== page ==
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The only regulator that has any say over the BBC at the moment is the Broadcasting Standards Commission, of which I am the chair, and of which the noble Baroness, Lady Howe, was an illustrious predecessor in the chair some years ago. Certainly there has been no difficulty in our day-to-day work in dealing with the BBC, as with all the other bodies. It works perfectly well, and I see no problems. We have no sanctions such as fining the BBC; our only sanctions are to uphold complaints and to publish when we uphold complaints, when they apply to the BBC or any other broadcaster. On certain occasions, in relation to fairness and privacy, we have the power to have on-air or newspaper publication of complaints.

In my experience, the BBC and the other broadcasters are very unwilling to have complaints held against them, and that serves as an adequate sanction. Therefore, although I see that the prospect of fining the BBC is in the Bill, I hope that the sanction will never be used. I am confident that it is unlikely to be used.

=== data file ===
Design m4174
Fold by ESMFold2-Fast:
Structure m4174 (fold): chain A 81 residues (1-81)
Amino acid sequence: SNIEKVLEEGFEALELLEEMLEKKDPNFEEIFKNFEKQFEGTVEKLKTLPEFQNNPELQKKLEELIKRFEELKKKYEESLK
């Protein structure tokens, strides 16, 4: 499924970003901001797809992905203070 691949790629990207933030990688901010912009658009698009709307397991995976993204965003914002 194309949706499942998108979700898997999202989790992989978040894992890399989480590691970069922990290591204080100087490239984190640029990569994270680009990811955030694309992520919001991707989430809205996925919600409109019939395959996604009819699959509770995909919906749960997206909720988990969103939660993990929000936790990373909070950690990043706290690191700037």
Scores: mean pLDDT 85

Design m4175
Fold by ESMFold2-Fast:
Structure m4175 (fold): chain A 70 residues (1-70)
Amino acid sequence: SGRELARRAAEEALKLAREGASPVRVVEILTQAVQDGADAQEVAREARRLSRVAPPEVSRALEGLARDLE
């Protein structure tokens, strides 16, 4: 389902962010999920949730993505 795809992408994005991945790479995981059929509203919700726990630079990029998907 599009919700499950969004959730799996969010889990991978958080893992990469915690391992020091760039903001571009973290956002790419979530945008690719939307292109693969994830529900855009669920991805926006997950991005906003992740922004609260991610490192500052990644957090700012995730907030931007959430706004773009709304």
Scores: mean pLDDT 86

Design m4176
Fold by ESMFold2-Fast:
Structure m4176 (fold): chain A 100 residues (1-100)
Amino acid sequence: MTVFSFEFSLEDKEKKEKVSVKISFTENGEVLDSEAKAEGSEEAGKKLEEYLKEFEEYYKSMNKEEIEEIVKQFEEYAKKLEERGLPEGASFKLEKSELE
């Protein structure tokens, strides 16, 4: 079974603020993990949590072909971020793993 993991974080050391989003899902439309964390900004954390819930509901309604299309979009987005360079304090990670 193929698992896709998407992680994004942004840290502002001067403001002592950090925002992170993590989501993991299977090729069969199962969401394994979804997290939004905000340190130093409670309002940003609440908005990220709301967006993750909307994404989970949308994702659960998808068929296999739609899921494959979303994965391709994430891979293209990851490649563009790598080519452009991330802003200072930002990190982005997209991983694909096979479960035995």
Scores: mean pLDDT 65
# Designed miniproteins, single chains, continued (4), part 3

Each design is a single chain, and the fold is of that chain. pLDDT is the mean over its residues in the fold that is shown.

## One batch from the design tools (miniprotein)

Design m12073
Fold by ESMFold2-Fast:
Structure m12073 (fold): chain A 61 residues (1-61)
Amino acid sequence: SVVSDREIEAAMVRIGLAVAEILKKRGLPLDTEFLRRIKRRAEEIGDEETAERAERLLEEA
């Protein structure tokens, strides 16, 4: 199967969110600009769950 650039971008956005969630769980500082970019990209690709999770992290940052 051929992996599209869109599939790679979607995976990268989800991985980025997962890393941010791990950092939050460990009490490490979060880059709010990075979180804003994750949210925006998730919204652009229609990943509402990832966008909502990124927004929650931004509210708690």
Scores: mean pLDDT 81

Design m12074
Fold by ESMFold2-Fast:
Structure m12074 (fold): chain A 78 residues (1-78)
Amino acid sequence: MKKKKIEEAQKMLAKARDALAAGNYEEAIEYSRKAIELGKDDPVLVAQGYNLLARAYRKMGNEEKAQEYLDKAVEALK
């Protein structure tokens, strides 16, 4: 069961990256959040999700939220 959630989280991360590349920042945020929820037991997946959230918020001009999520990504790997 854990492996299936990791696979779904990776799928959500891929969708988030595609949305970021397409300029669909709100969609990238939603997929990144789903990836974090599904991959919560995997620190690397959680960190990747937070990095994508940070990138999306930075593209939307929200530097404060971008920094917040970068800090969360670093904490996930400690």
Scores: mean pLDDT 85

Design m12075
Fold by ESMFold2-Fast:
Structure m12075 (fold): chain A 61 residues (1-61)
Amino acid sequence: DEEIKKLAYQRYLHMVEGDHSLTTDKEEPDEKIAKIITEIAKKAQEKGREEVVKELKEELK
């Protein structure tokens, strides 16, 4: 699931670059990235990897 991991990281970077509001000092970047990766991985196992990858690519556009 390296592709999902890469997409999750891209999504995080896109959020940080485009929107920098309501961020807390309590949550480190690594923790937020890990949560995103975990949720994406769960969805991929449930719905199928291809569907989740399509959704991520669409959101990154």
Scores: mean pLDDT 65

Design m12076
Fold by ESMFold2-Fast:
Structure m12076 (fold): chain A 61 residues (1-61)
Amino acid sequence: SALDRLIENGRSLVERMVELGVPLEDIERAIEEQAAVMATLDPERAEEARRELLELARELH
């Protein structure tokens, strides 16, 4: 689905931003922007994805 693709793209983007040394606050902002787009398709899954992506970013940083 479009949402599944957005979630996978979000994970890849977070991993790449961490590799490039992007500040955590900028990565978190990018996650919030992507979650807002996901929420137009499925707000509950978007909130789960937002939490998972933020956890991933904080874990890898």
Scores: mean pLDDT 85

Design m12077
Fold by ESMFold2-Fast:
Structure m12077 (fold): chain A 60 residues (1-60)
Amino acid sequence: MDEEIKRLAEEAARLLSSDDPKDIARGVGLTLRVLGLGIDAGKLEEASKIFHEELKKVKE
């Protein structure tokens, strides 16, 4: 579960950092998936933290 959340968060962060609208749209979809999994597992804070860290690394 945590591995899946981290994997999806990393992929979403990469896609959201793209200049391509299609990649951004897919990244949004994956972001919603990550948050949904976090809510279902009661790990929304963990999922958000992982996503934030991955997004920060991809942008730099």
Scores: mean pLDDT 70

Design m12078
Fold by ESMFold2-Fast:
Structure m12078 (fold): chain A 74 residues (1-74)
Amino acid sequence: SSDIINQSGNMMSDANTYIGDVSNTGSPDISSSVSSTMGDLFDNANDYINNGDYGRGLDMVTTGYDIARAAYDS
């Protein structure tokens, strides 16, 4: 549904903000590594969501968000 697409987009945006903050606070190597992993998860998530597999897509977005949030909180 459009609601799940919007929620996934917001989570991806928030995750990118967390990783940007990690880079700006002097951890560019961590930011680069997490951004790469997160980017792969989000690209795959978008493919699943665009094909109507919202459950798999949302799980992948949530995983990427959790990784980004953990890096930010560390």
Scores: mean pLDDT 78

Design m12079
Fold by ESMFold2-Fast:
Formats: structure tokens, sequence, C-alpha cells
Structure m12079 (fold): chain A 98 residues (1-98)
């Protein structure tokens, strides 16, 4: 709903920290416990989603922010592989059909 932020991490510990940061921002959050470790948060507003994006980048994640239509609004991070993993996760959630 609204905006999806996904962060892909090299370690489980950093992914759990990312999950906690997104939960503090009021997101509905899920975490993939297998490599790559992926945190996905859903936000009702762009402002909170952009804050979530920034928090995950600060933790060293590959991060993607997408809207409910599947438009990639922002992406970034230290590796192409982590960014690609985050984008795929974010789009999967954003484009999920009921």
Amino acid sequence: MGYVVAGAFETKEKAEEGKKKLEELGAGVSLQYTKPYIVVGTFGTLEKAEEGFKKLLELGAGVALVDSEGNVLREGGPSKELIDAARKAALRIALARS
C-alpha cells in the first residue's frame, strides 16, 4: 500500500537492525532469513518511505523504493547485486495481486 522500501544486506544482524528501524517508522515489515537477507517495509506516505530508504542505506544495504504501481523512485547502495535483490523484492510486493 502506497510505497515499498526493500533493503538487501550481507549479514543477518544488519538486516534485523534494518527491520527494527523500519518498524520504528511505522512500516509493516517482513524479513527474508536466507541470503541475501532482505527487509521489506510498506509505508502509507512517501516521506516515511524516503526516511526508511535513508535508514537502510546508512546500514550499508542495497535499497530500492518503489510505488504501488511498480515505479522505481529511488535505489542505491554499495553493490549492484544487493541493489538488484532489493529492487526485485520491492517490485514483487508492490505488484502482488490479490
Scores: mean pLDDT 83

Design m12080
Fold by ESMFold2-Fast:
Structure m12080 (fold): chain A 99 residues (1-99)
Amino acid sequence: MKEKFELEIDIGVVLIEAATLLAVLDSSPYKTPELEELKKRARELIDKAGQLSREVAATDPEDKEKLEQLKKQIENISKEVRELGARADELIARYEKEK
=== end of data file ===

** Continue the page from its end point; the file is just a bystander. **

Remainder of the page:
My noble friend Lord Sheldon, in defending the BBC, made a point on which I must take issue, in so far as I understood it. He said that when the governors as regulators of the BBC have an issue, it is sometimes inappropriate that the issue should come out in the open, as it is better dealt with within the walls of the BBC. I hope that I have got him right; that is my wording but, I believe, his sentiments.

Lord Sheldon: My Lords, my noble friend is fairly close, but not exactly right. The point I sought to make is that that is how it has happened; how it should happen is closer to what my noble friend suggests.